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Ultra-High-Definition: Do You Really Need It?

The current cutting edge of ultra-high-resolution is 8K. Also in this category are QFHD, and 2160p (4K).

Ultra-high-resolution is what you imagine you want in display technology. A clear, crisp picture at potentially enormous scale.

Now who doesn’t want that?

The reality is that ultra-high-resolution is a good match for a limited number of applications/workspaces.

Since 1080p, display resolution has quadrupled - 4K was the quadrupling of 1080p, and now 8K is a quadrupling of 4K. 8K is here and available, but not as broadly as 4K. Beyond the question of who are the early adopters, with this increasingly fine-grain changes in image clarity, just who is likely to need ultra-high-resolution?


The correct resolution you need or have capacity for depends in part on the type of display you use. Ultra-high-resolution 8K content has an aspect ratio of 7680 x 4320 pixels, which means an 18-foot wall would be required for a proper image display.

With LCD displays, size is not the issue. But on smaller screens, the potential selling point of an 8K monitor will be pixel density. But you must ask yourselves whether that ultra-level of clarity, practically indistinguishable from 4k unless you are incredibly close, is worth the time, effort, and spend.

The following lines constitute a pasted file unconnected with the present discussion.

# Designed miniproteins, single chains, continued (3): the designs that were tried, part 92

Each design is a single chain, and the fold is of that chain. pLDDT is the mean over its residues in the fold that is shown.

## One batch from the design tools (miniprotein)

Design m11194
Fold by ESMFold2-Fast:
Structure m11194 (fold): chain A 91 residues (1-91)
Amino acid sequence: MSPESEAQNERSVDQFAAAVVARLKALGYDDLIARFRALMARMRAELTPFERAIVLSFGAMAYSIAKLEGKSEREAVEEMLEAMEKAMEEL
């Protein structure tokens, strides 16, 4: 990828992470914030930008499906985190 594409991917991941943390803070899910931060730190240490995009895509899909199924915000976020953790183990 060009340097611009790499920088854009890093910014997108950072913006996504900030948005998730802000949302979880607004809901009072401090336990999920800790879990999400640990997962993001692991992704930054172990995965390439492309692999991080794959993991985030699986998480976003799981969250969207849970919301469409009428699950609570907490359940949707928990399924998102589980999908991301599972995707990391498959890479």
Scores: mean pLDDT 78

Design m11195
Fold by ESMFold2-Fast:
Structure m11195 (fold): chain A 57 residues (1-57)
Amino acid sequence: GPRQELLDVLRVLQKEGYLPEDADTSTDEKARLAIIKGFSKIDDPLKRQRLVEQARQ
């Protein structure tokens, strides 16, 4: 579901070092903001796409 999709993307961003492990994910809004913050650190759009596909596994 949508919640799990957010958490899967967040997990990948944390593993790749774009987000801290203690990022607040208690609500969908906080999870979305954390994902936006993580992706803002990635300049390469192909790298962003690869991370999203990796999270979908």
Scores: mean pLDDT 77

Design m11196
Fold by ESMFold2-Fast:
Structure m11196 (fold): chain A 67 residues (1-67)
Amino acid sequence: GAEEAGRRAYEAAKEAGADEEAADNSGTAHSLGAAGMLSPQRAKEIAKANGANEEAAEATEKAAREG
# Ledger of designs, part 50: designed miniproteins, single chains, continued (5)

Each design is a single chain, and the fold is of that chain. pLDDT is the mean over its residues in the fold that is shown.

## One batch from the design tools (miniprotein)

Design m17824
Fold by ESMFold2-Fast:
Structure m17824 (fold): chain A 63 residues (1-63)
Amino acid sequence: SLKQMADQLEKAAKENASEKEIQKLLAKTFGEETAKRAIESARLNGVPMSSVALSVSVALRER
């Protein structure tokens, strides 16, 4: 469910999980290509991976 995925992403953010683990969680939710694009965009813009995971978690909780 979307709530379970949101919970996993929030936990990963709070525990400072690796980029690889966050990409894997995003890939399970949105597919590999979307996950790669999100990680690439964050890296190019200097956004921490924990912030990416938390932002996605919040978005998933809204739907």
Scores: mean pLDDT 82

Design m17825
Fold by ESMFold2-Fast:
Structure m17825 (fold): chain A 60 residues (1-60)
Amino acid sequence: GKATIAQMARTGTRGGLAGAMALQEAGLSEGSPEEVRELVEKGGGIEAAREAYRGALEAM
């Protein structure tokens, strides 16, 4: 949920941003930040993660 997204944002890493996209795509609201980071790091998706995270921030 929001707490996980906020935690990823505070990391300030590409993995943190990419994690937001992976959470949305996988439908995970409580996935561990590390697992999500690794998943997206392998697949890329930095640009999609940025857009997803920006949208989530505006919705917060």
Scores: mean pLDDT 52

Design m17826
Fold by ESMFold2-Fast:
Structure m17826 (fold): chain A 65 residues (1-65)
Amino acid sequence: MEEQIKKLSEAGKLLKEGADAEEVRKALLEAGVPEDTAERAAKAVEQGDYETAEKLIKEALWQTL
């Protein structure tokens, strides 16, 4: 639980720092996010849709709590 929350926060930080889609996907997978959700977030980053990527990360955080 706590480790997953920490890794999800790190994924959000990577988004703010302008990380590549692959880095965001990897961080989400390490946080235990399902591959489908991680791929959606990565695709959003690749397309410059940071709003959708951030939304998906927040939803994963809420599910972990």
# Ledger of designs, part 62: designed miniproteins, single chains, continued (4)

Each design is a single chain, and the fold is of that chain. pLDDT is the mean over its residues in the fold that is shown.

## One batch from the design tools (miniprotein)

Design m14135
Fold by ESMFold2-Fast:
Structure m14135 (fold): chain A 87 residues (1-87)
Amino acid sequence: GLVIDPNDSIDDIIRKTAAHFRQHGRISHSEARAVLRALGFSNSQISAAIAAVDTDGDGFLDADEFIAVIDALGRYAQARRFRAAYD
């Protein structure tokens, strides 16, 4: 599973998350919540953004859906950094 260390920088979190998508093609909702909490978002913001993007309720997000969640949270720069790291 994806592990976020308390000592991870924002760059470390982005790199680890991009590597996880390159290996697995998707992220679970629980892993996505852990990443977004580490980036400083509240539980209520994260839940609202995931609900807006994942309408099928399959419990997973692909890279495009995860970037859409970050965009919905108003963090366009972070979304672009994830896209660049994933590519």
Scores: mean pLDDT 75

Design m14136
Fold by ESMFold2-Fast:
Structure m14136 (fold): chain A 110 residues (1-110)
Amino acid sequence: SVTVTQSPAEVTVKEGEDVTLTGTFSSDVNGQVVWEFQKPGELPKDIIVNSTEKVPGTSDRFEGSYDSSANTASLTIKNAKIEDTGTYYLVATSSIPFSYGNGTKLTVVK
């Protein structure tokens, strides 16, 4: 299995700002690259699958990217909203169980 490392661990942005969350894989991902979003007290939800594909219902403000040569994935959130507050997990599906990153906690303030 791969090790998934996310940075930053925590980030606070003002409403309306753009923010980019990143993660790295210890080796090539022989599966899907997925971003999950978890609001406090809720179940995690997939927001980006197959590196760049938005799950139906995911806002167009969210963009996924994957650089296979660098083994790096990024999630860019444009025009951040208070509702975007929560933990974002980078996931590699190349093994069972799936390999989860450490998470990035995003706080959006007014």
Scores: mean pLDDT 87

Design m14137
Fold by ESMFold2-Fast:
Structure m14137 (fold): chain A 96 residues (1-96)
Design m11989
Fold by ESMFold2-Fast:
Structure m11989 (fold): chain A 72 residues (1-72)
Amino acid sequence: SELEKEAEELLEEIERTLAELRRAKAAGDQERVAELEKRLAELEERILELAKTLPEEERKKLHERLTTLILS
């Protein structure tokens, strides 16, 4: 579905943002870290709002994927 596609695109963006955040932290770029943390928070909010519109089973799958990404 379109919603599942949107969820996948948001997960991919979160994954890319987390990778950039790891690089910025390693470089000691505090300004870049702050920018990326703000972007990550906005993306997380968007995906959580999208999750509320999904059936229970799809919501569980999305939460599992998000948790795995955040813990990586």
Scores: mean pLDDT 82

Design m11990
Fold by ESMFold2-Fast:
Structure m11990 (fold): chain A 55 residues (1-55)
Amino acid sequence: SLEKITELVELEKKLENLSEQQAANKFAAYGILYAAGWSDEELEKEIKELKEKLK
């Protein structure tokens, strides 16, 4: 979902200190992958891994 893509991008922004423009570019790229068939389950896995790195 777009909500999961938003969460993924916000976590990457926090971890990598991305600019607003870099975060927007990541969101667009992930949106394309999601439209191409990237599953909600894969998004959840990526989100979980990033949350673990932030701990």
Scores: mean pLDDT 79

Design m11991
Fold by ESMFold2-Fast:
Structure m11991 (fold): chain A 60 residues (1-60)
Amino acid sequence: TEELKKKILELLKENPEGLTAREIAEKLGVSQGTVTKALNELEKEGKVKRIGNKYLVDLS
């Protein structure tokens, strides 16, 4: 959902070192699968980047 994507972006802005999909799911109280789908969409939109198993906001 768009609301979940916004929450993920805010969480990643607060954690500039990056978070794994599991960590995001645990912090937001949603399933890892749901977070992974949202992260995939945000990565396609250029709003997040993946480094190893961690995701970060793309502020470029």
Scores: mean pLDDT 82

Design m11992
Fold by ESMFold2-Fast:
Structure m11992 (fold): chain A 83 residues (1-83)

This can certainly change over time, but realistically, very little content is available in 8K ultra-high-resolution. So, this is a situation where you can have exciting capabilities, literally without much to show for it – or on it – as the case may be.

File size of content is another area to consider. The more ultra the resolution, the bigger the file size. Storing, editing and distributing this content can present logistical challenges.This is an area where cost again becomes a factor because processing ultra-high-resolution content is more expensive.

“While an HD screen might run on a single phase of electricity, an 8K screen can easily require multiple 3-phase supplies – which means spending on developing the power supply provision as well as higher electricity bills once the integration is complete”.

Higher resolution screens, and the additional processors needed to support them also generate more heat and can make it necessary to increase your air-conditioning capacity.

Other Considerations:

  • 8K ultra-high-resolution does increase viewing range, so that might be a consideration depending on where and how you use the display.

  • Audio channel – 8K supports 22.2 audio channel, whereas 4K is at 5.1

  • 8K supports frame rate up to 120 Hz progressive

  • Infrastructure – ultra-high-resolution applications may require upgrades in electric service, processing support, even air conditioning. There are wider implications than just getting that crystal-clear image.

We are getting ever closer to bigger experiences in terms of image size and resolution. For applications where this is desirable, where it makes sense, and where it meets the budget, ultra-high-resolution is an exciting potential next step.

But if it doesn’t – maybe there’s a chat to be had to make the best choice?

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